Friday, November 04, 2016

Alberta's Hundred Billion Dollar Hangover Cure

There's these two guys, see? Regan Boychuk and Brent O'Neill. Two Albertans. They want to revive Alberta's collapsed labour market while, at the same time, cleaning up the mess "up north." And they figure a hundred billion dollars should just about cover it.

First, however, they'll have to get the Alberta government to face the problem it's spent decades ignoring - the environmental catastrophe sometimes called the Tar Sands.

Their proposal, "is built on several premises. The first is that the time for fossil fuel extraction has ended in Alberta. The low fruit has been picked and nobody saved anything for the future.

"The second is that climate change has become a clear and present danger. “We need to start making a real reduction in man-made emissions so our future generations have the same opportunities we once did” says the RAFT proposal.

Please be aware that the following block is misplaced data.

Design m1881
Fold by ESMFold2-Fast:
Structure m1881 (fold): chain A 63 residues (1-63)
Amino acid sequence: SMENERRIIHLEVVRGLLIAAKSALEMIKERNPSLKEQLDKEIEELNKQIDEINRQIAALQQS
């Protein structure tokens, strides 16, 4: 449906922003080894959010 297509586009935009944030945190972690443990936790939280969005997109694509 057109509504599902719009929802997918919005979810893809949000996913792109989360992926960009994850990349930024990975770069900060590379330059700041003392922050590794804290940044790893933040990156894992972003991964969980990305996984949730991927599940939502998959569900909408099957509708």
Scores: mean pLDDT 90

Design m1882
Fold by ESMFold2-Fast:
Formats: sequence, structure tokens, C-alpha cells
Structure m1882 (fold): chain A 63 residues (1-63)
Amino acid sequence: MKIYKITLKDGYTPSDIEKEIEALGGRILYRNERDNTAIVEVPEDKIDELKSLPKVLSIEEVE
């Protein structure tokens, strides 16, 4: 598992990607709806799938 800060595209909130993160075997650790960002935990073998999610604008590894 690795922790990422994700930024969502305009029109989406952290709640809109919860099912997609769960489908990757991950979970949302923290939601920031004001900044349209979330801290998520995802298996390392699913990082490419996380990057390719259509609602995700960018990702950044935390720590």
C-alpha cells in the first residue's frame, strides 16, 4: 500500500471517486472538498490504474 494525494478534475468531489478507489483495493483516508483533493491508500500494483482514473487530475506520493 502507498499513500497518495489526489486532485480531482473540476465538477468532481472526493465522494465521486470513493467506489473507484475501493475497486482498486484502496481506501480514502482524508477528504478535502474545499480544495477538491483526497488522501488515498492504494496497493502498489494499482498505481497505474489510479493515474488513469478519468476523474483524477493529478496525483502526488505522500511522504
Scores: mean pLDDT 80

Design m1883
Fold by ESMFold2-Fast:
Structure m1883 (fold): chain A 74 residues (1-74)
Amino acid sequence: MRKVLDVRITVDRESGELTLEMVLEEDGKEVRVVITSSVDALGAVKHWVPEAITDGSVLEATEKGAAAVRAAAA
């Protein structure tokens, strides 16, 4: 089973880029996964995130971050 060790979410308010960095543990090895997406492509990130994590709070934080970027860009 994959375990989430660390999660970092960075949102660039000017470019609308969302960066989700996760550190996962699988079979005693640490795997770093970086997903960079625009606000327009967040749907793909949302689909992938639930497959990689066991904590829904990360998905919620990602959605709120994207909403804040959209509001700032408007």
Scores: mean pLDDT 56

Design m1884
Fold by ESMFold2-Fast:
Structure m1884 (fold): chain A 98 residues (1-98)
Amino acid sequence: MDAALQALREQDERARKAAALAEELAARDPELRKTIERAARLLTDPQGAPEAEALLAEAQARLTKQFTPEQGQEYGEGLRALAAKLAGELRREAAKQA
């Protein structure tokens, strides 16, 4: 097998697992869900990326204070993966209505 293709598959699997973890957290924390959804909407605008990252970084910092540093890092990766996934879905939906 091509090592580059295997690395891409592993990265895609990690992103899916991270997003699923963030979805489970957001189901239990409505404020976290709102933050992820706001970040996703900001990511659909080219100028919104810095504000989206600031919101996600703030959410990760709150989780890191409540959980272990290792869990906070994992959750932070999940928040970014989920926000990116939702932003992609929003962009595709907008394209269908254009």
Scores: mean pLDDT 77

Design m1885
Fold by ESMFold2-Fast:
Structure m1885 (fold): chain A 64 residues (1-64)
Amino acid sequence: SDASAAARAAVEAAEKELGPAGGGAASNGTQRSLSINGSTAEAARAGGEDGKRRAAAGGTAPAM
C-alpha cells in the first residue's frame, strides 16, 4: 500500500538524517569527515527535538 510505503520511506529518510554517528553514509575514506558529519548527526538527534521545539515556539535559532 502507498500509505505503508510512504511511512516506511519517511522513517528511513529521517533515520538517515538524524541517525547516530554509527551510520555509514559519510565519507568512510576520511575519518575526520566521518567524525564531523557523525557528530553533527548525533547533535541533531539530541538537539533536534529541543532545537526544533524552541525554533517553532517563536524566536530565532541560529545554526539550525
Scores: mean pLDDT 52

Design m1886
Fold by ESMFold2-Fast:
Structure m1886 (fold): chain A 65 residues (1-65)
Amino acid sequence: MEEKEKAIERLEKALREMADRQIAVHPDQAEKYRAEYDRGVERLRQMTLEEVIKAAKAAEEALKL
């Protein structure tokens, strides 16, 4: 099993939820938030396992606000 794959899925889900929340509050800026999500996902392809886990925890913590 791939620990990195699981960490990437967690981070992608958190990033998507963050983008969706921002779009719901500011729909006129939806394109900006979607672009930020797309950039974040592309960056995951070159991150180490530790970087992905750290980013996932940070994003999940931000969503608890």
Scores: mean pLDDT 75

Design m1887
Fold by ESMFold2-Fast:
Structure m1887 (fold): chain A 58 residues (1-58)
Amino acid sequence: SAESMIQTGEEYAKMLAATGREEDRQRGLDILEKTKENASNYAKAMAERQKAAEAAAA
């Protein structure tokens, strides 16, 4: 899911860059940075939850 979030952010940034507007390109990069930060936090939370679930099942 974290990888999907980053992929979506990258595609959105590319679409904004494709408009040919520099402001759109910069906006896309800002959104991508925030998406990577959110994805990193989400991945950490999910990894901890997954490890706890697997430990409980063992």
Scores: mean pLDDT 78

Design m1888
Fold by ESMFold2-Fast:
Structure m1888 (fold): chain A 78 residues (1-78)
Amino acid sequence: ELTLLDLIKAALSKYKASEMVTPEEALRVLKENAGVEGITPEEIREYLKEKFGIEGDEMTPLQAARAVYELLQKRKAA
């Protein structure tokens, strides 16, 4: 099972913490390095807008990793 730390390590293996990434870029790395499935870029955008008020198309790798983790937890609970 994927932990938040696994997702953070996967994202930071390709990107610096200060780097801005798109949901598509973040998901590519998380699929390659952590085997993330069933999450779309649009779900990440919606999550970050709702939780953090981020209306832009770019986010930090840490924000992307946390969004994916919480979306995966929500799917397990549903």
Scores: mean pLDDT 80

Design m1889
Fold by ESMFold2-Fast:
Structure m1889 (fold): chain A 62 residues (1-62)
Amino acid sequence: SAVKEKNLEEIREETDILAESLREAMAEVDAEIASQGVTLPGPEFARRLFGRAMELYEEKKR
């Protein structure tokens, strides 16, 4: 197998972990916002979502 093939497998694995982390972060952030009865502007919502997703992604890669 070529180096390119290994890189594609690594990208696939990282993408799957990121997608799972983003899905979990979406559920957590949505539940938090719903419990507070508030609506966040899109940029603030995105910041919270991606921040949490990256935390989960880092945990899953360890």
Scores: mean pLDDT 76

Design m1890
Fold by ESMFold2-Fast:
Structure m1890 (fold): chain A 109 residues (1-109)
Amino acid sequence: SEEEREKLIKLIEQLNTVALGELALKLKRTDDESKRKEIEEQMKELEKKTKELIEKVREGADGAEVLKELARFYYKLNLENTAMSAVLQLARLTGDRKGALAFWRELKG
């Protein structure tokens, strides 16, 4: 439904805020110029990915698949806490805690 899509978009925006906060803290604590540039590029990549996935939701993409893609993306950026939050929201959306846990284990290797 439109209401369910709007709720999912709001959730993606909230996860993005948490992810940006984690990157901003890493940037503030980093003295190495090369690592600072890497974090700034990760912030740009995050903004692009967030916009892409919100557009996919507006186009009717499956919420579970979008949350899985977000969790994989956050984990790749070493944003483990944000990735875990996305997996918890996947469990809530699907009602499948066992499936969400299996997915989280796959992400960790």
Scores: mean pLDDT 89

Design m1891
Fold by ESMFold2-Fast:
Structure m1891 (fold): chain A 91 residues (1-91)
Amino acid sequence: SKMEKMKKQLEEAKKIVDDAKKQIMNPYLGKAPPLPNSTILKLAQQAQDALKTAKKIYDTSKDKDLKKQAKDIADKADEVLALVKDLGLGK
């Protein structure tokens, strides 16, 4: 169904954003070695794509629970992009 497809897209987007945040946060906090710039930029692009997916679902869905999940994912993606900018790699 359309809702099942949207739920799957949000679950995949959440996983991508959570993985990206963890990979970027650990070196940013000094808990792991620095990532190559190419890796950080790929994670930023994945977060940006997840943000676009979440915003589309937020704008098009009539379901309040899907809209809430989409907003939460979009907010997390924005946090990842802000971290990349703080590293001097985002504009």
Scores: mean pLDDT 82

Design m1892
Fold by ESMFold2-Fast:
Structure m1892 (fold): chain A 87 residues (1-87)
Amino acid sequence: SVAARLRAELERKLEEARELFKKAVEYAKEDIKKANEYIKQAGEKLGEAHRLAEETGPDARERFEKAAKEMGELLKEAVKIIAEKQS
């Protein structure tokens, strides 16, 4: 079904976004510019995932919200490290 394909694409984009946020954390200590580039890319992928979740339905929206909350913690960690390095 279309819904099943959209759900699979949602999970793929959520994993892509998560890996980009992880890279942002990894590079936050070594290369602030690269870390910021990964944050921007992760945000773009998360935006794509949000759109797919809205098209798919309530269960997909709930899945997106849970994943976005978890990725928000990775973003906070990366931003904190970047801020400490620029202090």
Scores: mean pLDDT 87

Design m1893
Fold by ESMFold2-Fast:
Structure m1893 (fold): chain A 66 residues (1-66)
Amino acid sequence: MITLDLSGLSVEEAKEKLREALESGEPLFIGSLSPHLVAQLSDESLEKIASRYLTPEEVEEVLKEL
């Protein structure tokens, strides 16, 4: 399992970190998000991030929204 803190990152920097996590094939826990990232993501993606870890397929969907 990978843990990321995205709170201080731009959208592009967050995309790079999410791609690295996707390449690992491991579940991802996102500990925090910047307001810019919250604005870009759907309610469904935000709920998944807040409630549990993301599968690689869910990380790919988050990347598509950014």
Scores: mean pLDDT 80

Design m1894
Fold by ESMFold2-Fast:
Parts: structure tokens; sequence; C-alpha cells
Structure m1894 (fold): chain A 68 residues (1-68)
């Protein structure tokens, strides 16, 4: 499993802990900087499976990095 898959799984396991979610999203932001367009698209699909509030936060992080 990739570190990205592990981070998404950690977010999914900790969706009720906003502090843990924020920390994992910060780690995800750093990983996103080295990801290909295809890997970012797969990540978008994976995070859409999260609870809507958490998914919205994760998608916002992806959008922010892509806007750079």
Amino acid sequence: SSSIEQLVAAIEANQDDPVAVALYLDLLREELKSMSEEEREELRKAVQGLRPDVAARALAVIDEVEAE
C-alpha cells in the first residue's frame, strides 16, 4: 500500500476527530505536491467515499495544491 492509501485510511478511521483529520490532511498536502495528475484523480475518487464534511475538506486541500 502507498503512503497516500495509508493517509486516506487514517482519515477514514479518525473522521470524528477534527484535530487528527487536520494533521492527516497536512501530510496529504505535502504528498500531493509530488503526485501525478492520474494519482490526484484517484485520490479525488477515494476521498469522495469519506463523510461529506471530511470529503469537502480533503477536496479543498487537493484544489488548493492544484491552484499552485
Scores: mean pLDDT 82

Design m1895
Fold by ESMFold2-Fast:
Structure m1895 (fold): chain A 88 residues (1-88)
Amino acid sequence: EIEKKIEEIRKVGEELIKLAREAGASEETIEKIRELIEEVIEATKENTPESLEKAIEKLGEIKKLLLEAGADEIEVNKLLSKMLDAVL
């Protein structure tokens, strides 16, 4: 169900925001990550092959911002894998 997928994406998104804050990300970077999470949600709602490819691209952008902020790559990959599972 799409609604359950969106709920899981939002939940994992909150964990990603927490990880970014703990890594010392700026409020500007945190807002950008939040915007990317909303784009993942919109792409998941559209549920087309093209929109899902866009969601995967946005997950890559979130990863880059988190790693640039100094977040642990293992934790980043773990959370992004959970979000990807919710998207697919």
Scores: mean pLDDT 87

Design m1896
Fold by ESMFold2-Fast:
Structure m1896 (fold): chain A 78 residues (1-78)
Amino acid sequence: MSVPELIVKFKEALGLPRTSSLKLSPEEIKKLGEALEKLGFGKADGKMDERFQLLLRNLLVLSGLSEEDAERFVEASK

"The best way to respond to this emergency — as well as increasing oil price volatility — is to wind down the industry and re-employ people in a massive environmental clean-up, RAFT proposes. While industry has a legal obligation to clean up its inactive wells and abandoned pipelines, it probably won’t spend the money unless government tackles some surprising legal obstacles.

"Cleaning up has many economic benefits. It puts oil service companies back to work and would employ thousands throughout the province. The clean-up would last decades and fixing leaking wells would reduce methane pollution into the atmosphere."